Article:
“I am of the view that when doing business deals you have to ask yourself: ‘How will this make me feel if it is published on the front page of the newspaper and my wife and kids found out?’…that, for me, is the true test of whether something is a grey area or not in terms of ethics.”

He said that people know what’s going on in the country. “It’s Gupta leaks, it’s Eskom, it’s bribery, it’s corruption and collusion, back and forth. I believe we will get to the point where it will no longer be fashionable to do whatever is necessary to drive the nicest car, to live in the best house.

Power added that placing greater emphasis on developing ethical leaders would help eradicate corruption, which is holding the county back.

“Corruption and fraud is the largest weapon of mass destruction. We will not eradicate poverty in Africa unless we eradicate systemic corruption.”

While there is no instant solution to addressing corruption and developing ethical leaders in business, civil society, and government, there is no doubt that educational institutions have a crucial role to play in terms of teaching and promoting ethics, good character, courageous stances and moral choices.

Marcus Tannenberg, one of the authors of the Poznan Declaration, a formal statement aimed at mainstreaming ethics and anti-corruption in higher education, said that universities need to use their influence to address “the causes behind the causes” – that is, the determinants of corrupt behaviour, which likely has its roots in the value systems of decision-makers at various levels within the public and private sector, many of whom have been educated at universities.

The broader society and the home also have important roles to play. In a 2010 article published in the Journal of Values-Based Leadership, Joseph Hester and Don R. Killian argue that we cannot speak about ethics and moral behaviour without talking about community and the home. They claim that moral values are learned early in life and direct our purposes, beliefs, and values as we mature.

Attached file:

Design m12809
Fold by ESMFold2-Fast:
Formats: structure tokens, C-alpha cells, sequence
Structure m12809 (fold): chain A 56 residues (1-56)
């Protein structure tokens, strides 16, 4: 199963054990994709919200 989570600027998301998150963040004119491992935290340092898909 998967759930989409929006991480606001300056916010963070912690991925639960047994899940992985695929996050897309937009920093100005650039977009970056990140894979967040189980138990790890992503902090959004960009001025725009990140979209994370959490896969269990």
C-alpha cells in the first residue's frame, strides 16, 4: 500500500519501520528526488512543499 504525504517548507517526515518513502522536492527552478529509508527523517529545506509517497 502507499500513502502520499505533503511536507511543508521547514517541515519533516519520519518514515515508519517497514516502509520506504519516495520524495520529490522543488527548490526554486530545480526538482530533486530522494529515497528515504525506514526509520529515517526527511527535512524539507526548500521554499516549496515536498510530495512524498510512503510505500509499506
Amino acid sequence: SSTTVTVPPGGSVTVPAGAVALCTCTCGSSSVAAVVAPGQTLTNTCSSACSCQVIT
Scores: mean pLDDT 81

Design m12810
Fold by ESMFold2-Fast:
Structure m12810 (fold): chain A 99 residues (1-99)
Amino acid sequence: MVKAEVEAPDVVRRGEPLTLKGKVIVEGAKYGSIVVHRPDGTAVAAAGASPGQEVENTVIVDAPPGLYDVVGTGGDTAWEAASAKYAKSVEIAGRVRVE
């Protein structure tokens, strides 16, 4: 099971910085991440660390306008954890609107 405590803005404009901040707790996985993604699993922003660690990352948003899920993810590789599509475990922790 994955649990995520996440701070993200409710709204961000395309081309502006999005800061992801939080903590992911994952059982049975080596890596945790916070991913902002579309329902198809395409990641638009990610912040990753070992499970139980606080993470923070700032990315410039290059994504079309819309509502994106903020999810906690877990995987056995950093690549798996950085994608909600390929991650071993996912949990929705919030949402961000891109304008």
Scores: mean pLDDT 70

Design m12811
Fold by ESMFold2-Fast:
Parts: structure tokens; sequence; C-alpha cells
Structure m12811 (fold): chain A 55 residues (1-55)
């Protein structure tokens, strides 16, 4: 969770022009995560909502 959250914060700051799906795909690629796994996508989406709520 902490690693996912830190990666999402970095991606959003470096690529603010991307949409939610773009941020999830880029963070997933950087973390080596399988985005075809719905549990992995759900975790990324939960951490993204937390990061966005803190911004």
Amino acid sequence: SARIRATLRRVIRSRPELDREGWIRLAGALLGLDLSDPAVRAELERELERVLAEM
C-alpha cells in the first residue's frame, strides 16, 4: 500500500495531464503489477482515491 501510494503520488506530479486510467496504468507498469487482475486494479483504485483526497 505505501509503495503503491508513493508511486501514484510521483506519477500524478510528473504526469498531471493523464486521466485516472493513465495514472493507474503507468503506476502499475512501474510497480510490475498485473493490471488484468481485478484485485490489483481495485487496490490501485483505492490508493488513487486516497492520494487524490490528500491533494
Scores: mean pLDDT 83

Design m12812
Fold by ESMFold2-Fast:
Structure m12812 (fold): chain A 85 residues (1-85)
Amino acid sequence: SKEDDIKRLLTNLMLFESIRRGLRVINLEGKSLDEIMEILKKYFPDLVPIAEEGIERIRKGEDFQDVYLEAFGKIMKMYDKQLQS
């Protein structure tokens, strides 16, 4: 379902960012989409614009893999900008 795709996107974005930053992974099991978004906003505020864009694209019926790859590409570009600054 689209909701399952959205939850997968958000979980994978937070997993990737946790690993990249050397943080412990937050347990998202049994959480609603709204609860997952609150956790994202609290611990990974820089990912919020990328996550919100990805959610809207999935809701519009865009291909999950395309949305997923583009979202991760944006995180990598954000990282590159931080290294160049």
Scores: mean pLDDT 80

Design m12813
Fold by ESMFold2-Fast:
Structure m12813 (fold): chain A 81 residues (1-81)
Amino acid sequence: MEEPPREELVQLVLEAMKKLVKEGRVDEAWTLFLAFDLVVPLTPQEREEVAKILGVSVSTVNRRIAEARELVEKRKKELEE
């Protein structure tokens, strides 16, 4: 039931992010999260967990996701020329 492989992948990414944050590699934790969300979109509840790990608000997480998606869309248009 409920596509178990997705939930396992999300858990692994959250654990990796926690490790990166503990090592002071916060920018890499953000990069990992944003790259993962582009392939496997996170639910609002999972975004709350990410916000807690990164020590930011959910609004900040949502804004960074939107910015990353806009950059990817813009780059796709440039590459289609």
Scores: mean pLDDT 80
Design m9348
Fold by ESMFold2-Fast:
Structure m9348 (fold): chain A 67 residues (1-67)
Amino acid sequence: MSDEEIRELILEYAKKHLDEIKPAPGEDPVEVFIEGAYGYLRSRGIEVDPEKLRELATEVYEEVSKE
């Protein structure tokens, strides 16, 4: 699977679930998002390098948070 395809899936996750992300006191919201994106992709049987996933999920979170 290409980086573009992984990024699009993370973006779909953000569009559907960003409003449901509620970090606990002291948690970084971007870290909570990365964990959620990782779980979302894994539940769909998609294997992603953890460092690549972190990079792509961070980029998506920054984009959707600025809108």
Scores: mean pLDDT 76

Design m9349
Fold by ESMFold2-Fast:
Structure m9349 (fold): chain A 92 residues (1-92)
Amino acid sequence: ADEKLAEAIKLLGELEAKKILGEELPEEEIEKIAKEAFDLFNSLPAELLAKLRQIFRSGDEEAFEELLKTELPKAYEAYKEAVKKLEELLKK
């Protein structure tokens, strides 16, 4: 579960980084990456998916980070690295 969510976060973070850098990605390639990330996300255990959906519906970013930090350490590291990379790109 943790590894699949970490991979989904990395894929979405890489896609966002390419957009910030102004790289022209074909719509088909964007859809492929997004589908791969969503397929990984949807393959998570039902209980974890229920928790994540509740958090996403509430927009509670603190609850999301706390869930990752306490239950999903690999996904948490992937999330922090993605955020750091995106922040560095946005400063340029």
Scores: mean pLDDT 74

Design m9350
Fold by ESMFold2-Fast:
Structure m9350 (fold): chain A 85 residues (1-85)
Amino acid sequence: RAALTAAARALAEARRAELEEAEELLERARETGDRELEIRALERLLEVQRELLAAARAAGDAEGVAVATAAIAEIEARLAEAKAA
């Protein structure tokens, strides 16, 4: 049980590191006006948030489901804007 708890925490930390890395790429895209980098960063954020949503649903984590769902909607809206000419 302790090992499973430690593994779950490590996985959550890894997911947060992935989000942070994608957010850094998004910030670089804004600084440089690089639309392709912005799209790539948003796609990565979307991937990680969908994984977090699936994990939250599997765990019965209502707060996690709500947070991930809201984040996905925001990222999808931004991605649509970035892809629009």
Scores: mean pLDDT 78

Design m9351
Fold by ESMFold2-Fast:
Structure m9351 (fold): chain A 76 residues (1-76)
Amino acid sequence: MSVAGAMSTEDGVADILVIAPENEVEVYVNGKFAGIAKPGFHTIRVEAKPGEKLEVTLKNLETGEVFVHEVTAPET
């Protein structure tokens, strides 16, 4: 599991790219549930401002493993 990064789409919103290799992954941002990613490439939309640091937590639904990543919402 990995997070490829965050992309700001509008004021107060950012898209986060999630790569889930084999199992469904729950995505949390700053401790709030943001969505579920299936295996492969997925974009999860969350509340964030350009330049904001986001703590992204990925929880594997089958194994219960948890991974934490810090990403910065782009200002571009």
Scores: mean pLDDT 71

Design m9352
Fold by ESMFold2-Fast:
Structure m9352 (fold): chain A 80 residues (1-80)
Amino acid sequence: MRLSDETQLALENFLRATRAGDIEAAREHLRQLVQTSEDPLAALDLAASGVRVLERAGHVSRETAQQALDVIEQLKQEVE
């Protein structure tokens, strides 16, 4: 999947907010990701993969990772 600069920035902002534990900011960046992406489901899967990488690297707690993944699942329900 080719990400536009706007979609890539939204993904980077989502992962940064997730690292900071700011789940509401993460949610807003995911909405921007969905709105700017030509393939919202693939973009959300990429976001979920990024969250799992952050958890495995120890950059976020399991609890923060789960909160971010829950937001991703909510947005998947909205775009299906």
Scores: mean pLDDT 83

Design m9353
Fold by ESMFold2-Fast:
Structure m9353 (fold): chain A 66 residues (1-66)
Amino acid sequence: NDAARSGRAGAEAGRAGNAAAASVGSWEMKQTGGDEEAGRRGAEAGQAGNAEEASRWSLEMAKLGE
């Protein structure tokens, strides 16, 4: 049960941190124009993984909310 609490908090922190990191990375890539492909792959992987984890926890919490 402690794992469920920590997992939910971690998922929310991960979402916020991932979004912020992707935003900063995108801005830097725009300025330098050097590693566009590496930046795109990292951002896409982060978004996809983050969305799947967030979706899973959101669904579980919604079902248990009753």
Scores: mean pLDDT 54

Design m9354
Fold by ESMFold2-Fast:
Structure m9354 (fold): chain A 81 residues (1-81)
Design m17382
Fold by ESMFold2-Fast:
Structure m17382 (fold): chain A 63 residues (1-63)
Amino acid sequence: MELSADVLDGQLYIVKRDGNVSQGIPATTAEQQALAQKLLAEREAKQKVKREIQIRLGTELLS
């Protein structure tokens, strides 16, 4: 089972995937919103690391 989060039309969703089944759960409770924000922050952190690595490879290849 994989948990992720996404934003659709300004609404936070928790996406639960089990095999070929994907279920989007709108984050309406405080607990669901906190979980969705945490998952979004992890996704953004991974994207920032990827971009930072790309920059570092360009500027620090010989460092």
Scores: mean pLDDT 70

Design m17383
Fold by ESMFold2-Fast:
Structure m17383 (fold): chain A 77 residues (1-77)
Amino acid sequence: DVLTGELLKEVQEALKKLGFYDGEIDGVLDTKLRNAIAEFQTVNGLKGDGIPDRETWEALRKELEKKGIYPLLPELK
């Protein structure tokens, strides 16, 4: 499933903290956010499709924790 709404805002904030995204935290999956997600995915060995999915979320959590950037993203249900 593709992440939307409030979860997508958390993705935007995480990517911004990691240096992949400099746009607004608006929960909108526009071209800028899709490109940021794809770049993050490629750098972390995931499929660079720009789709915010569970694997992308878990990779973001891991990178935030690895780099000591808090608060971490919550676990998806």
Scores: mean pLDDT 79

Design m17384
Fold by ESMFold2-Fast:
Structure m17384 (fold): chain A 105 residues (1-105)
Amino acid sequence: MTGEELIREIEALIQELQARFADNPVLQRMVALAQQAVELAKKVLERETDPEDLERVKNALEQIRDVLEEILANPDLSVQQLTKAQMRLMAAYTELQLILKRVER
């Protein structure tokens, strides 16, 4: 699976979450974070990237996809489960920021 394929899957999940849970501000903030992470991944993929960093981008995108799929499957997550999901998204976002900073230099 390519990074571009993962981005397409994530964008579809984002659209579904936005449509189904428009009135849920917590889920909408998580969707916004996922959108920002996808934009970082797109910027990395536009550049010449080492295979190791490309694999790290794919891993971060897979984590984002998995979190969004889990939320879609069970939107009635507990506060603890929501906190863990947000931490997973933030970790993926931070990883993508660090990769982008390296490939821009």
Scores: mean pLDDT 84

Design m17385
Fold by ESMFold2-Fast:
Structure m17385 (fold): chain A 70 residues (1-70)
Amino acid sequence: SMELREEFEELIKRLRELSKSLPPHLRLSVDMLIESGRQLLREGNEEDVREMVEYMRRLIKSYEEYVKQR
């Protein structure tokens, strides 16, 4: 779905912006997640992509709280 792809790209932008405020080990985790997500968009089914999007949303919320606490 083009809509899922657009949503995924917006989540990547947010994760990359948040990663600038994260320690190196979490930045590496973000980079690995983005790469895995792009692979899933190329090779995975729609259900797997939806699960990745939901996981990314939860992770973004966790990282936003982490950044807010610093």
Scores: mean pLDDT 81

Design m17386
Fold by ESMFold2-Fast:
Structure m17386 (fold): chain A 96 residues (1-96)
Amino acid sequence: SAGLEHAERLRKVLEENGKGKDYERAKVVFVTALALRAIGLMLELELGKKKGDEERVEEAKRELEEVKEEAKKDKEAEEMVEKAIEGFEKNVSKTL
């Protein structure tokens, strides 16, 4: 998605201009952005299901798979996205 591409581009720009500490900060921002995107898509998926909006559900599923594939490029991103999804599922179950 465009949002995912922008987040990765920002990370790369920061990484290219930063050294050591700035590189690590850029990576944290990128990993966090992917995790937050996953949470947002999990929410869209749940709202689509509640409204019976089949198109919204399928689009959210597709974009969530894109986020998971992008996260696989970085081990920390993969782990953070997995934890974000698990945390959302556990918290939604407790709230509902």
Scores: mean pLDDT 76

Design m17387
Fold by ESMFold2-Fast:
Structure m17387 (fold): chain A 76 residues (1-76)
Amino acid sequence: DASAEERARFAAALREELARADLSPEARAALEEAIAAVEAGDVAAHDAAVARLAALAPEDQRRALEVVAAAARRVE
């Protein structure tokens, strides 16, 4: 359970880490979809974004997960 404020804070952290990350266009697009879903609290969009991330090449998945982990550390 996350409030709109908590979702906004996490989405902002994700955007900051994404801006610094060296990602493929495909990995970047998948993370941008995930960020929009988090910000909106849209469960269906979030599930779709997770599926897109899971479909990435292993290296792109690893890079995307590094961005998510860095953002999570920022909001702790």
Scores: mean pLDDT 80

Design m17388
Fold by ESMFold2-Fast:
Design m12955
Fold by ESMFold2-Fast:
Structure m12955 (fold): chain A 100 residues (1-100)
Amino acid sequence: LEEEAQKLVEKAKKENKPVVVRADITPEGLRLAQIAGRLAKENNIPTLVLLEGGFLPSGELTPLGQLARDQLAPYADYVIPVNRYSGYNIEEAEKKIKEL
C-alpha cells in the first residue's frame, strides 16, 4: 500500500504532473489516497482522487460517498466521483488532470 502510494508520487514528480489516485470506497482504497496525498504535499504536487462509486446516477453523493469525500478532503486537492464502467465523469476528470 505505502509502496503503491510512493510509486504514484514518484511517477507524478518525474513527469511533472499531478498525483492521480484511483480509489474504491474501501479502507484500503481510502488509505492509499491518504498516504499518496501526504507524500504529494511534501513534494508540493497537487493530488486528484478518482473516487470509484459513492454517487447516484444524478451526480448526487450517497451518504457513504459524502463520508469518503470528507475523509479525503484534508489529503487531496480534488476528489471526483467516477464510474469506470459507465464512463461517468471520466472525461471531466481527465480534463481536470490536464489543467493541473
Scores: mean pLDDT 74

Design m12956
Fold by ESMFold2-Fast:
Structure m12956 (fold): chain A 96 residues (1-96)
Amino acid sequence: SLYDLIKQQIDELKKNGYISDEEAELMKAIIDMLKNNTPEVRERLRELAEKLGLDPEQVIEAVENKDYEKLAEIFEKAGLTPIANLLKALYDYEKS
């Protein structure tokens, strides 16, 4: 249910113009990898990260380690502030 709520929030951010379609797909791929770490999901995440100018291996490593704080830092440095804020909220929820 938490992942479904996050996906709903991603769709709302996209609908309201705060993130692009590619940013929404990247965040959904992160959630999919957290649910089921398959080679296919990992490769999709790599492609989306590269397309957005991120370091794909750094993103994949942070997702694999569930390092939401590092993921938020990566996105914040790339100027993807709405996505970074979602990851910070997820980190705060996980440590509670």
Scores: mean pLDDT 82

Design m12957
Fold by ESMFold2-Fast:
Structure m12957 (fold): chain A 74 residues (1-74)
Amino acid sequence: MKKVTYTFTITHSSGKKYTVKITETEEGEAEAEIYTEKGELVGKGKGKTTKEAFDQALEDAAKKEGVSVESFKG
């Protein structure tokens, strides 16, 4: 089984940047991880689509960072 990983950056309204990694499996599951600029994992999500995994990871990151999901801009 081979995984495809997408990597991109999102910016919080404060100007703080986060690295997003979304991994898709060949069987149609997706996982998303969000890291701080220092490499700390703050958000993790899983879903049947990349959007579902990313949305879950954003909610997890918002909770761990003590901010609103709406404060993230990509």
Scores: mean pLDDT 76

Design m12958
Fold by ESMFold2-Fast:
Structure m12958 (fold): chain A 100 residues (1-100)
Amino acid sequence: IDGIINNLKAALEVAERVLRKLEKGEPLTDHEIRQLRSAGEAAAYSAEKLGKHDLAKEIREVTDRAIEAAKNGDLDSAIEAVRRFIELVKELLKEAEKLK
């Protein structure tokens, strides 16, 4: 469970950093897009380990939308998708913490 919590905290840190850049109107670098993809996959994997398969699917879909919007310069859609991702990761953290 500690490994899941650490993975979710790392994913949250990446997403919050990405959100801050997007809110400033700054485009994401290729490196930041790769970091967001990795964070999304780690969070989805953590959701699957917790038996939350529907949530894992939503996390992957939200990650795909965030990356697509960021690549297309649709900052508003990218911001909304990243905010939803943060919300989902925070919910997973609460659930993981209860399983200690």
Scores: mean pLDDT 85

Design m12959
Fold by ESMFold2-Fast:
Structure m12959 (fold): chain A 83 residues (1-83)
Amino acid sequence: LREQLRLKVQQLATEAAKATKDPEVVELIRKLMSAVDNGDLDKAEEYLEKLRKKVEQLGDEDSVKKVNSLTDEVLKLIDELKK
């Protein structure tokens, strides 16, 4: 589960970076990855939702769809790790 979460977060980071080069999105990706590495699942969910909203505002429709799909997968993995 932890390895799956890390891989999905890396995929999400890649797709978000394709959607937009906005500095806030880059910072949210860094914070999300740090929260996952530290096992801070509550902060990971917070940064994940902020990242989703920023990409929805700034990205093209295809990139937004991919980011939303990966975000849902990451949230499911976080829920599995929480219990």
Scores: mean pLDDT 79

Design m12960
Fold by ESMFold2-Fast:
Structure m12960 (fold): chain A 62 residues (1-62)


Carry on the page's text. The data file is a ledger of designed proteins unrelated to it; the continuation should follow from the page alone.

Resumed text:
“The financial debacle of 2009 confirms that many in leadership positions feel that this is a ‘me-first’ world and are apt to live by principles of greed rather than the moral principles they have sworn to uphold. There is an urgent need to dig deeper, to ensure that children first grow up with a proper understanding of right and wrong through a study of morals and ethics.

"If we expect our children to grow up with a respect for the rule of law, which needs to be seen as fair and equitable for all, then we need to teach them about making moral choices and having a value system as a basis for their decision-making,” Hester and Killian pointed out. 

Without proper ethical considerations, they argued, we are in danger of society becoming increasingly fragmented and unstable as self-interest overshadows the public good.

“We cannot put everyone in a single moral universe but we can teach them about cause and consequence, about the value of charity and community and about having values that are not able to be measured in material terms alone.”

  • Dr Nceku Nyathi is a Senior Lecturer in the Allan Gray Centre for Values-Based Leadership at the UCT Graduate School of Business.